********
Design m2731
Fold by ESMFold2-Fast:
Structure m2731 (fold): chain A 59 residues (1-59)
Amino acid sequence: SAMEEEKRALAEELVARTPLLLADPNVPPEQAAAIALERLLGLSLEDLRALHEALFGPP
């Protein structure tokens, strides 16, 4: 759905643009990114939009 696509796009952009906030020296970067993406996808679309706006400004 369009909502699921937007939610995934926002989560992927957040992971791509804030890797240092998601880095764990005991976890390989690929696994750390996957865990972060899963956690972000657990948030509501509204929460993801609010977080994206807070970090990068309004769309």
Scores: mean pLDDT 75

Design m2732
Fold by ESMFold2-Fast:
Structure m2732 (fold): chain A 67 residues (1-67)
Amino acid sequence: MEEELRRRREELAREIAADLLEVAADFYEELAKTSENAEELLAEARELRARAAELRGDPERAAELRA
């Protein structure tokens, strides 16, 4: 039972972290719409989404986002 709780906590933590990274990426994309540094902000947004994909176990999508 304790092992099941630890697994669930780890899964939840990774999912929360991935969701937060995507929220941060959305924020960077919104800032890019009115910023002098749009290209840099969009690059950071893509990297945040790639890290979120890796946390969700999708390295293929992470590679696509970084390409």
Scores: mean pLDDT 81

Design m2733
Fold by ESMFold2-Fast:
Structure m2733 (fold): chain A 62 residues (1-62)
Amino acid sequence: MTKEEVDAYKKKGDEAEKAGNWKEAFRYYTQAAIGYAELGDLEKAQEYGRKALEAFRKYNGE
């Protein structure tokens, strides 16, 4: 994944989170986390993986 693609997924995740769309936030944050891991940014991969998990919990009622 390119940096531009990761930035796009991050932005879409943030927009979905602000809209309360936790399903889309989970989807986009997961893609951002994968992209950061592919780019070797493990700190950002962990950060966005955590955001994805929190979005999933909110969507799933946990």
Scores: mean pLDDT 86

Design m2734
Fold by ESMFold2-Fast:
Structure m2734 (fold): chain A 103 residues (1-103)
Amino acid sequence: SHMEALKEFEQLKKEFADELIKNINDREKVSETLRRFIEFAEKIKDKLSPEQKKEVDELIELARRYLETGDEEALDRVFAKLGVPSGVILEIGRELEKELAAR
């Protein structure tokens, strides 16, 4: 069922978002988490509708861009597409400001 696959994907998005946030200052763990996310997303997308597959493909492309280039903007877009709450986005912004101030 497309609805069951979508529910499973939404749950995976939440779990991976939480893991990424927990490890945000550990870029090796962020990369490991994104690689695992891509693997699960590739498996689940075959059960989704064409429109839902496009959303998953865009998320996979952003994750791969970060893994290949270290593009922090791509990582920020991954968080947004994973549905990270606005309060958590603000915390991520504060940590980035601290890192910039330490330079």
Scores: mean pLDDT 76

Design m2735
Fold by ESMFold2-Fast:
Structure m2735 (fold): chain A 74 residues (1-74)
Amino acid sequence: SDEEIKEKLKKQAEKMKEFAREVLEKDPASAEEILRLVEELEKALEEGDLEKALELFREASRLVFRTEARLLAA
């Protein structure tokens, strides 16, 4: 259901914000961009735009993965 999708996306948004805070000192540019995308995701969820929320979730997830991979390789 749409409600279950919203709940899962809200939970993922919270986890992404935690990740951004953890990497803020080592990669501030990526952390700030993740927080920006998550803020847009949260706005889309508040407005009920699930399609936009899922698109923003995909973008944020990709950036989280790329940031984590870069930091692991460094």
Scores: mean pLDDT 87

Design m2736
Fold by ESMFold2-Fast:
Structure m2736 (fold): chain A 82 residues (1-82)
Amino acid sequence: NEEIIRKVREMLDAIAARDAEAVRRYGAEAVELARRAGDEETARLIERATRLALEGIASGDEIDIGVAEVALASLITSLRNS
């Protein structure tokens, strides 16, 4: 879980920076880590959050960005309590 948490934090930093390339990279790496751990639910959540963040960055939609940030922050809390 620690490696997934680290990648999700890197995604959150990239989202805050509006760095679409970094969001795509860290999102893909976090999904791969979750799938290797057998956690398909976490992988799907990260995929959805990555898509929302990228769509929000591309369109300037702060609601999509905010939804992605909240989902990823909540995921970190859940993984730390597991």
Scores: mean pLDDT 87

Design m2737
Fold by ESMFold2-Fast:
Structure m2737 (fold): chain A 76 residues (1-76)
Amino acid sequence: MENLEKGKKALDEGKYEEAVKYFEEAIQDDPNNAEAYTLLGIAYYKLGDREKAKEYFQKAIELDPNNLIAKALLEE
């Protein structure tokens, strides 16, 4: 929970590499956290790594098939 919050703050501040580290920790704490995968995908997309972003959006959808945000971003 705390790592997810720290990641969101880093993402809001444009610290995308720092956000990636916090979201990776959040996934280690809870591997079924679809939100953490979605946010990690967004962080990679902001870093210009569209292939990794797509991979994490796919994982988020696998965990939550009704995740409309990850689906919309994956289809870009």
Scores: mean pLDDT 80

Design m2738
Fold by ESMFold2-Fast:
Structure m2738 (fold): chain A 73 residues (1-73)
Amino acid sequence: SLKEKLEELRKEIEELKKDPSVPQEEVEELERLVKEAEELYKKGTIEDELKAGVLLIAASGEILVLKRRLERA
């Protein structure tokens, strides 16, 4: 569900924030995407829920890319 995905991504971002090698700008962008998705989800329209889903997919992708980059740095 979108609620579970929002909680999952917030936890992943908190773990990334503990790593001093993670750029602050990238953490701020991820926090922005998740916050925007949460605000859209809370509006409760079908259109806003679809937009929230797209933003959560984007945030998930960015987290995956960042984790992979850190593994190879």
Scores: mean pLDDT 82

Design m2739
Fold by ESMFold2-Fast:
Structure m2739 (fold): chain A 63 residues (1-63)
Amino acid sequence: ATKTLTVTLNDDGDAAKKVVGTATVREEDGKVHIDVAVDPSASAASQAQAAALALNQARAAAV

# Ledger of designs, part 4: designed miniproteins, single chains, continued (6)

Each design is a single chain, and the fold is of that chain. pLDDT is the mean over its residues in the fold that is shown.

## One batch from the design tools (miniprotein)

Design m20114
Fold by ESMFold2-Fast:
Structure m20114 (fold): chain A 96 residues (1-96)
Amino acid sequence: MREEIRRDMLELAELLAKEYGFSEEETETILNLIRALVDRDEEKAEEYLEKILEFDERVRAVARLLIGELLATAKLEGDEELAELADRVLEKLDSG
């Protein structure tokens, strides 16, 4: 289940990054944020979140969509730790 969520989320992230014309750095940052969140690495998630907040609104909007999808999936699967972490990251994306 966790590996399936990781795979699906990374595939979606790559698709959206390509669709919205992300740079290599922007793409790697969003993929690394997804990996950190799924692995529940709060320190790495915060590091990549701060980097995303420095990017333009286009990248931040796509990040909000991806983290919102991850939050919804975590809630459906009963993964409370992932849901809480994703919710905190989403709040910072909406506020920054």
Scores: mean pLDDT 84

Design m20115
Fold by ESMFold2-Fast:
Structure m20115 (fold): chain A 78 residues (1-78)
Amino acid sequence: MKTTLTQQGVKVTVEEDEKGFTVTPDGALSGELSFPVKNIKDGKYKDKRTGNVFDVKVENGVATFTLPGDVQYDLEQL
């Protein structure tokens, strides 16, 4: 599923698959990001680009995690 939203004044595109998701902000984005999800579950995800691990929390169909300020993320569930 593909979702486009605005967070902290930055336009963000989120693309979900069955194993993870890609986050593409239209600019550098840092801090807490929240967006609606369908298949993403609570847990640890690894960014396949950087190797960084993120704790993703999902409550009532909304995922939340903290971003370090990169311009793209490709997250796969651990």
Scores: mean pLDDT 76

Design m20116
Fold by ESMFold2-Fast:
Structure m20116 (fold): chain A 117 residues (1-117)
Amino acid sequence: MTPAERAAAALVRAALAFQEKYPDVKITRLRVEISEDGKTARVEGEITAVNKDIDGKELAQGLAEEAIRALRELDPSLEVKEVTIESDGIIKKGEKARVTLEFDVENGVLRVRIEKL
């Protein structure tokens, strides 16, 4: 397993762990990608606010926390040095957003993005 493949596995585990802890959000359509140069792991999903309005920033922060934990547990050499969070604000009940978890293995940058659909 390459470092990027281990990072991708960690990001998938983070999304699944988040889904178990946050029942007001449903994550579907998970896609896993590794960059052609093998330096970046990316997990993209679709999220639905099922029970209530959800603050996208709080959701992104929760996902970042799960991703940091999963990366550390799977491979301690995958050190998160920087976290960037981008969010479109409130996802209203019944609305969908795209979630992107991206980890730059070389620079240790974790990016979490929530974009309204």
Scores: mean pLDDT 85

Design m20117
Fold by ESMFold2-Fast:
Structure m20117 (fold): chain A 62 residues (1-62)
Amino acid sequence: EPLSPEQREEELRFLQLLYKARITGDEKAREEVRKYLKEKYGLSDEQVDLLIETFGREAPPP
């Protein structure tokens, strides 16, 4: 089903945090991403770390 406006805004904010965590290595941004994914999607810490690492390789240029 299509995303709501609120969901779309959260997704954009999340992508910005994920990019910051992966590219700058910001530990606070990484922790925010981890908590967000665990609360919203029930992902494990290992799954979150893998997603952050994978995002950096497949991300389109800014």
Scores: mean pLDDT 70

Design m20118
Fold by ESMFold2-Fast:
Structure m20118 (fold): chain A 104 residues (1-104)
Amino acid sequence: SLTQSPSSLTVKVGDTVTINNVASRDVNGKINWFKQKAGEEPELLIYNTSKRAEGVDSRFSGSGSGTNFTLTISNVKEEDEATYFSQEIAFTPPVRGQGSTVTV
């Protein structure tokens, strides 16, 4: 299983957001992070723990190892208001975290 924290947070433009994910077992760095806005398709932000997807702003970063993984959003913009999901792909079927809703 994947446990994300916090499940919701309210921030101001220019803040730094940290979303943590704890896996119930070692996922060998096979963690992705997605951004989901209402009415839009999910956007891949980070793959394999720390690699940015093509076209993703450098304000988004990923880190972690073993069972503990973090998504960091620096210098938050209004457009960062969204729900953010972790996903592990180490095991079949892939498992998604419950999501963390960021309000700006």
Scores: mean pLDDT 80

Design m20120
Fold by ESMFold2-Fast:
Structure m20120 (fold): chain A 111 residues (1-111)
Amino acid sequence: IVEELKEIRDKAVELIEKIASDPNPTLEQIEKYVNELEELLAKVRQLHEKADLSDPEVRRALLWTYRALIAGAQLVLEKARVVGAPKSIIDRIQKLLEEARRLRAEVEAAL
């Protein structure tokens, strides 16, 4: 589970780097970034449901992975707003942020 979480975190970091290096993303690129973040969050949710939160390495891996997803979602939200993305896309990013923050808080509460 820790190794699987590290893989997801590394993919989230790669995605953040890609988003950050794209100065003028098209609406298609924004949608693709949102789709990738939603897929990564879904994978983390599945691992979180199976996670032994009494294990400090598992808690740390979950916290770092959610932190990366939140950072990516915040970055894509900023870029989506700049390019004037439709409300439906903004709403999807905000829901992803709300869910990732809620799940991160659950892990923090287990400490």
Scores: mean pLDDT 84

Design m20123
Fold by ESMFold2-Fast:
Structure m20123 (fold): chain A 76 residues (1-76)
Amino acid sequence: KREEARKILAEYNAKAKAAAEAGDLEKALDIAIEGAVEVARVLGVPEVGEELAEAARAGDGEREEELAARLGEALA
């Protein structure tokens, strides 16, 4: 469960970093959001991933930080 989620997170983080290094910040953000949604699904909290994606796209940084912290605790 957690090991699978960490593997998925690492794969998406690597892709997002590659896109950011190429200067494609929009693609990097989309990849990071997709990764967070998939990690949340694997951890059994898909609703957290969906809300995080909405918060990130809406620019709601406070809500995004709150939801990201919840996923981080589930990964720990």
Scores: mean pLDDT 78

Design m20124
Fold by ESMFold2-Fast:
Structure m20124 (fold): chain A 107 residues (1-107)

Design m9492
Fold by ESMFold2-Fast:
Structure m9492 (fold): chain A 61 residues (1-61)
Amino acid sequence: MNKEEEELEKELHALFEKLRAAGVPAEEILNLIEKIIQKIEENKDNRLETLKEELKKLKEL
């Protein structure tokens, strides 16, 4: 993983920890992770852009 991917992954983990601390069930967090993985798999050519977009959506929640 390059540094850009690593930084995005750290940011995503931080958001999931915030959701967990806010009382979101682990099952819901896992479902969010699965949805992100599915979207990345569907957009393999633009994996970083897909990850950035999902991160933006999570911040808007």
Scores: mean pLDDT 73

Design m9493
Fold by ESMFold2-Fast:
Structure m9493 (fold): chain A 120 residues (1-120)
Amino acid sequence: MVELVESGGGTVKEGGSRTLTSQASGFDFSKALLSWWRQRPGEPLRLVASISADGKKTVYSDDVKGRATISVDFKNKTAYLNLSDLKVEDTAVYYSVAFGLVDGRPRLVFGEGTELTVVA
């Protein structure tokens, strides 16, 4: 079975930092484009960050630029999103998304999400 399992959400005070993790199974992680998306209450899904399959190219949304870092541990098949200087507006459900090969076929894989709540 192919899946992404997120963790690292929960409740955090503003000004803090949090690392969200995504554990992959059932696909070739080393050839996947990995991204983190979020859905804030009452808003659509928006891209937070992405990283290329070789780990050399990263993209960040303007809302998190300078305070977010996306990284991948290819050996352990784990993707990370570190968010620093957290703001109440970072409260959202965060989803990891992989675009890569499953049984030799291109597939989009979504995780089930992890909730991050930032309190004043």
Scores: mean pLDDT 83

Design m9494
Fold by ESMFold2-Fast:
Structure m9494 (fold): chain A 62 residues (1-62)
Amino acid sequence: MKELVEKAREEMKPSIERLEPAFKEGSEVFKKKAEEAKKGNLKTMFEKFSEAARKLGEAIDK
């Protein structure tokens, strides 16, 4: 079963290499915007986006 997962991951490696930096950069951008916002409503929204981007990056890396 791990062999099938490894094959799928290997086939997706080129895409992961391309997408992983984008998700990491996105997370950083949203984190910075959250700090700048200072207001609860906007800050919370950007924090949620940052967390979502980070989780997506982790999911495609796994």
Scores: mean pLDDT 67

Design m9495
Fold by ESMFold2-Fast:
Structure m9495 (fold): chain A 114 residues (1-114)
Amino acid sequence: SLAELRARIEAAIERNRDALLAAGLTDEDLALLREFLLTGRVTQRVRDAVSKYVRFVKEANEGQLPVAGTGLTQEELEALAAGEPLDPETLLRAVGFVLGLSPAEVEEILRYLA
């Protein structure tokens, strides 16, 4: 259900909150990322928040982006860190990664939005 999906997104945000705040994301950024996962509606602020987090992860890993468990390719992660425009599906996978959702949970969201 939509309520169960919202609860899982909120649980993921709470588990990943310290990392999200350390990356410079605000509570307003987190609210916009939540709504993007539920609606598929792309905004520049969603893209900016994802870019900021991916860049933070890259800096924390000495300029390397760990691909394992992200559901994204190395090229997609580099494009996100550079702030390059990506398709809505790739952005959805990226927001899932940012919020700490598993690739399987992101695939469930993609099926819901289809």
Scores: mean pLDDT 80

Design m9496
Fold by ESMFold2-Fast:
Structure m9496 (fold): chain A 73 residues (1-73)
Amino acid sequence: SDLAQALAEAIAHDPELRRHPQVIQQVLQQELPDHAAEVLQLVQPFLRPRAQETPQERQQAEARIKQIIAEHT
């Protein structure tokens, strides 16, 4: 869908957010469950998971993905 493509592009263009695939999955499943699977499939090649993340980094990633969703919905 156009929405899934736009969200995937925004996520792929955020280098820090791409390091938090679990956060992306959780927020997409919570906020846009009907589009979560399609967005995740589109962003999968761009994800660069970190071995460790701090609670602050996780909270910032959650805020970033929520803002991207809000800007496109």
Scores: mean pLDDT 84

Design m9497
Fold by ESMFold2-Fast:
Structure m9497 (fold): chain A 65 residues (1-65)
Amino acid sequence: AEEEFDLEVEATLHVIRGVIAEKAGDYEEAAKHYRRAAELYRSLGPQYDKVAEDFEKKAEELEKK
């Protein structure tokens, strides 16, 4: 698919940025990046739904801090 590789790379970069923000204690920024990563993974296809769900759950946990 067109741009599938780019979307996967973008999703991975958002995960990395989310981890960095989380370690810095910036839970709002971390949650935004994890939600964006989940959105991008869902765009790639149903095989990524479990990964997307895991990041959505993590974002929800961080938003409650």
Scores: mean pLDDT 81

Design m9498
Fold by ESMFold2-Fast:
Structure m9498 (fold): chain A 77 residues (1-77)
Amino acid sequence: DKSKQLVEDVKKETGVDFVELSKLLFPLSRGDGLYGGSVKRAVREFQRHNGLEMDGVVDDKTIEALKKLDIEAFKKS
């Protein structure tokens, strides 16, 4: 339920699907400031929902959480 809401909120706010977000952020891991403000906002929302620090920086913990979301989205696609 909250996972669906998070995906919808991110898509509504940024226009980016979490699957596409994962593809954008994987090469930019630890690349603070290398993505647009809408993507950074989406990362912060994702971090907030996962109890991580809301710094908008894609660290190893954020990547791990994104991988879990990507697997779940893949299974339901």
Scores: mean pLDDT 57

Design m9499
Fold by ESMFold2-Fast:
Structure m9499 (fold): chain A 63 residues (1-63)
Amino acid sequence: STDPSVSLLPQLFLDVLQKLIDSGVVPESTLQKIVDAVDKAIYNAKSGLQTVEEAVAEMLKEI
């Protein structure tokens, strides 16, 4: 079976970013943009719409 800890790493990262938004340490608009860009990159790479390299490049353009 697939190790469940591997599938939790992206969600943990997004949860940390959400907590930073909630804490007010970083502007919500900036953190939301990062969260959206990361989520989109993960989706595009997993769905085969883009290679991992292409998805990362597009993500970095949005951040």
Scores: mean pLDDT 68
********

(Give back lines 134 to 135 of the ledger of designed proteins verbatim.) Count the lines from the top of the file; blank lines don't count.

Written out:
Amino acid sequence: AEEEFDLEVEATLHVIRGVIAEKAGDYEEAAKHYRRAAELYRSLGPQYDKVAEDFEKKAEELEKK
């Protein structure tokens, strides 16, 4: 698919940025990046739904801090 590789790379970069923000204690920024990563993974296809769900759950946990 067109741009599938780019979307996967973008999703991975958002995960990395989310981890960095989380370690810095910036839970709002971390949650935004994890939600964006989940959105991008869902765009790639149903095989990524479990990964997307895991990041959505993590974002929800961080938003409650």